The Aftermath (Sermon for the Poway Chabad Synagogue)

Parashat Acharei Mot 2019
Rabbi Esther Hugenholtz

The Aftermath 

Vayidom Aharon’ – ‘and Aaron was silent’.

Thus the Torah tells us, three parshiyot ago, before Parashat Tazria, Metzora and even our Parashah today, Acharei Mot. In Parashat Shemini, we read the chilling account of the death of Aaron’s sons, Nadav and Avihu. In a cryptic incident, they offer ‘aish zarah’, ‘alien fire’ upon the altar. Many commentators condemn them for defiling the newly-inaugurated Tabernacle through an unaccounted offering. Some commentators, like the Ohr haChaim, praise their initiative of religious enthusiasm and devotion.
Be what may, God strikes the two young Priests down. Moses offers a strange response to the tragedy: “This is what the Eternal meant when God said, ‘through those near to Me I show Myself holy, and gain glory before all the people’.” (Lev. 10:3)
Was Moses offering words of consolation or criticism? Was he channelings God’s condemnation or approval of the ‘aish zarah’, the strange fire? The text isn’t clear and the question of Nadav and Avihu’s Kiddush Hashem, martyrdom, stands unresolved. All we know is that Aaron was silent. 

Silence. Perhaps muted, perhaps burning. I suspect many of us have struggled to find the words this past week, in light of the Poway synagogue shooting. 
Like an alternative Omer counting, we count – seven days already; the week of Shivah – since a White Supremacist gunman entered the community at prayer and emptied his gun upon the congregation. We mourn the loss of Lori Gilbert-Kaye, zichronah kedushah livrachah, who died Kiddush Hashem, for the sanctification of God’s Name, martyred.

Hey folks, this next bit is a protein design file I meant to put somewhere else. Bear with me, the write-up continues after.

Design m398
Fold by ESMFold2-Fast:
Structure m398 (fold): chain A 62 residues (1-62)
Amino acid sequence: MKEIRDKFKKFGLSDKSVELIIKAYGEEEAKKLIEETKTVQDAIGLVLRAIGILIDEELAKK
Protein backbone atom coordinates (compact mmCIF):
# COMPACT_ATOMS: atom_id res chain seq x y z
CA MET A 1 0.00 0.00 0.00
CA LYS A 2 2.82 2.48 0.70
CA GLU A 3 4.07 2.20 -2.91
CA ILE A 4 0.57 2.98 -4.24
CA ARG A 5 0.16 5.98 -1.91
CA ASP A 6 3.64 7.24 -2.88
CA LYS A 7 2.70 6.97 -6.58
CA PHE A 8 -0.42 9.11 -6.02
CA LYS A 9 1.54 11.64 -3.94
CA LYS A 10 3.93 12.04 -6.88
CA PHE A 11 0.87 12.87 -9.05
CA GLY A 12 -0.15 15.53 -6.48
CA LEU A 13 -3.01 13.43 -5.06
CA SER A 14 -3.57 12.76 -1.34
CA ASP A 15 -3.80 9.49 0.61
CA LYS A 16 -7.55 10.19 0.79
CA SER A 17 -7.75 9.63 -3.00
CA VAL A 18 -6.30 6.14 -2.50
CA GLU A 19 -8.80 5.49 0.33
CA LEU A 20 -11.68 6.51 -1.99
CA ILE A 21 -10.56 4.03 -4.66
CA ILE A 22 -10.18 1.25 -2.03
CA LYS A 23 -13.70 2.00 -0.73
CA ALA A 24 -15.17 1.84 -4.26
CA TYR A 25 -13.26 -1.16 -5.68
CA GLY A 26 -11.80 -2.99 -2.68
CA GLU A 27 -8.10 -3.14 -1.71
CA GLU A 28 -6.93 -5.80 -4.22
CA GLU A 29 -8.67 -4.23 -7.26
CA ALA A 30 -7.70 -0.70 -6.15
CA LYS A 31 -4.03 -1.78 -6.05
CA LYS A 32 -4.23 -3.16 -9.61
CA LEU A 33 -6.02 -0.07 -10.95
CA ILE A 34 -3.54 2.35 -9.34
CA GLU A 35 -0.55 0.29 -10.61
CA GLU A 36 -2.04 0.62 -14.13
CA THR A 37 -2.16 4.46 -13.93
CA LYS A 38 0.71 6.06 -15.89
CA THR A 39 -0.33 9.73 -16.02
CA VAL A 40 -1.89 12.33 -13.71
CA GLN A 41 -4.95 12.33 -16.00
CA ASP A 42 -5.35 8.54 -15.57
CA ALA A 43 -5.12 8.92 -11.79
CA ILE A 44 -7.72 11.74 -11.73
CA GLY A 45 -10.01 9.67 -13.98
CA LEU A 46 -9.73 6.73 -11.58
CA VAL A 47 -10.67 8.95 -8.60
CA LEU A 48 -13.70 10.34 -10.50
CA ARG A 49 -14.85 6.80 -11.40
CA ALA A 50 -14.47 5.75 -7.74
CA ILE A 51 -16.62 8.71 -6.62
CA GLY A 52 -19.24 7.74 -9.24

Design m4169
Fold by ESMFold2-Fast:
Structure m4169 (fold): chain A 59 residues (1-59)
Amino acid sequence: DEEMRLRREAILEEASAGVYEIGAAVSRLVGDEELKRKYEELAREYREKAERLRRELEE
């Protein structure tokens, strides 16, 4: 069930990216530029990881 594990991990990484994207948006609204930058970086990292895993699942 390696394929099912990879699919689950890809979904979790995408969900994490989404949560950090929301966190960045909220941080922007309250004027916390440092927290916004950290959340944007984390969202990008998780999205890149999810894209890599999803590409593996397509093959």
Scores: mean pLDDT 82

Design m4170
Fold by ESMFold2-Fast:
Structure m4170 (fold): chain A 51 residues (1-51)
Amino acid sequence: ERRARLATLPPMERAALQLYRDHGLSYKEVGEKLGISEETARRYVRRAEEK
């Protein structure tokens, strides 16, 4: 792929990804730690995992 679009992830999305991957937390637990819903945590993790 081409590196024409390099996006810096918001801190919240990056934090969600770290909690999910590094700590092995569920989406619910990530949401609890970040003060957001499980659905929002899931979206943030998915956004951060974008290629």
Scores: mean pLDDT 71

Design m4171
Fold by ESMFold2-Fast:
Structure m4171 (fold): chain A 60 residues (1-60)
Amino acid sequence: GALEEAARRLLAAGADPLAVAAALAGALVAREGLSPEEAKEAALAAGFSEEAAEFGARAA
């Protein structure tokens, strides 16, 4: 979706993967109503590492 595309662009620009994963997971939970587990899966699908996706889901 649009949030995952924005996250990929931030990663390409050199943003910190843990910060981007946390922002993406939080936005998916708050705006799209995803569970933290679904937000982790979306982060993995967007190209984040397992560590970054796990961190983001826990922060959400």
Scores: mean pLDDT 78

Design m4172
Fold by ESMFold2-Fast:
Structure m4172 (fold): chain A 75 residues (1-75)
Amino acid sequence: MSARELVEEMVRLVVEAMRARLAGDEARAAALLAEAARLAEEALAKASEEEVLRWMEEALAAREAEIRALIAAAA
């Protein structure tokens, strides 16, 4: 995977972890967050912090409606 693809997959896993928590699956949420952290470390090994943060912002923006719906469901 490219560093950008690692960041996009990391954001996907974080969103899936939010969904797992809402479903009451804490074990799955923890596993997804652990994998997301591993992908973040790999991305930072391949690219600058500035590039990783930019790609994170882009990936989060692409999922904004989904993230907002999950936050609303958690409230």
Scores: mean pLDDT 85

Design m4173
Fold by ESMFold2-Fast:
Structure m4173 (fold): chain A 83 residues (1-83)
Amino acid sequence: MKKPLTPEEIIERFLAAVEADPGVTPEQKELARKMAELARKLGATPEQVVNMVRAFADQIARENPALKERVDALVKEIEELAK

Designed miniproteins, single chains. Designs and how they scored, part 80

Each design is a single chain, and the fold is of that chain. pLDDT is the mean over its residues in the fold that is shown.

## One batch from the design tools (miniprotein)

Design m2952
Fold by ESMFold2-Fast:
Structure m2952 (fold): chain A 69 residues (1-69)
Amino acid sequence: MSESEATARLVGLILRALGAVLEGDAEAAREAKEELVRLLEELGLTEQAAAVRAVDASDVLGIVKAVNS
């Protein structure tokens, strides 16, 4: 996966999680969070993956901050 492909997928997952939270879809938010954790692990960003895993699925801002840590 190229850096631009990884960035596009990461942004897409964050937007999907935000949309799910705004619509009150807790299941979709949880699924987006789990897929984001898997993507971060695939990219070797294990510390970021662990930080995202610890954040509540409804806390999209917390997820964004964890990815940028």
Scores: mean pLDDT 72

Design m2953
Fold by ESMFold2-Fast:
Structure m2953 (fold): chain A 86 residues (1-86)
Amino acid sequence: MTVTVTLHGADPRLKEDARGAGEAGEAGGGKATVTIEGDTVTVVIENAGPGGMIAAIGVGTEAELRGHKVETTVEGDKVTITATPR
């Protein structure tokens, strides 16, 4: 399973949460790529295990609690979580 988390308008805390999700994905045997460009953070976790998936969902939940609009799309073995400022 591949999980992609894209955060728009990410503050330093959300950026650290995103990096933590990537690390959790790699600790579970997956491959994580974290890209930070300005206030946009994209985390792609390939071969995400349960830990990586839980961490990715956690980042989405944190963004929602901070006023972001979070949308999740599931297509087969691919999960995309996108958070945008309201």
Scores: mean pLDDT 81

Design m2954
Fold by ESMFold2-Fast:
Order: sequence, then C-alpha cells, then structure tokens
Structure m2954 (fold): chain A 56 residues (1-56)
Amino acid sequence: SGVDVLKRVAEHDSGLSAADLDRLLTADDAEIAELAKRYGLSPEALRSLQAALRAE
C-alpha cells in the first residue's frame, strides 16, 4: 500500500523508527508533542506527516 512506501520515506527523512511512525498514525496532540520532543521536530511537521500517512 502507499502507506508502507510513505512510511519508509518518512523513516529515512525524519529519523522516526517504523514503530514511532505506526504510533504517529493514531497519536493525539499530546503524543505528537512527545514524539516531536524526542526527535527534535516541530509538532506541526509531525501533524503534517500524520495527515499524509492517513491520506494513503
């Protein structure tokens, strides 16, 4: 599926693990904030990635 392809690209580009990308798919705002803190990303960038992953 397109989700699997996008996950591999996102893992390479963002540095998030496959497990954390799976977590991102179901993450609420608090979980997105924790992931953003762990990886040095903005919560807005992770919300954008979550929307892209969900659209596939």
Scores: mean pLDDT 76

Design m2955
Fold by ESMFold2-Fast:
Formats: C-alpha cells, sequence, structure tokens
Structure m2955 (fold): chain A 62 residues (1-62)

Silence. Upon hearing the news, I felt something different from what I felt at the Pittsburgh shooting. I had felt hot rage and steadfast determination. It was a new sensation, being confronted with the possibility of death in the nation that has, for the most part, treated its Jewish community well. This time I again felt rage, but I felt something else too: numbness and resignation. A loss for words, and a desire to retreat into silence. A morbid thought occurred to me, this relative newcomer to the United States: ‘this will keep on happening again and again.’ It is a thought familiar in the wake of every shooting or terrorist attack. A thought familiar to those who have lived through school shootings and massacres at houses of worship. Now synagogues can be added to this ignoble list. 
‘Vayidom Aharon’ – and Aaron is silent. 

It is strange that Moses spoke and Aaron held his tongue. After all, it was Moses who struggled with speech. It was Moses who was fearful of appearing before Pharaoh lest he could not find the words. It was Moses who was ‘heavy of tongue’. Aaron, presumably in league with Miriam, was the older sibling: the one rooting for Moses and coaching him. It was Aaron who, at crucial moments, did find the words. But not now. 
We turn the pages, jumping from Shemini to Acharei Mot. This week’s Parashah deals with the aftermath of the death of Nadav and Avihu. Stepping away from ritual law to process this death in the sparsest of language, we get a mere three verses to work through what this all meant. ‘Acharei mot sh’nei b’nei Aharon bekorvatam lifnei Adonai vayamutu’ – ‘after the death of the two sons of Aaron who drew close to the Eternal and died.’ The Etz Haim chumash translates this as ‘drew too close to the presence of the Lord.’ While the emphatic ‘too’ is implied in the narrative, it is never made explicit in the Hebrew syntax. In short, it’s an interpretative choice, hearkening back to the makhloket, the interpretative disagreement, over the virtue or failing of both young men and we are left wondering whether the Torah is purposely insensitive.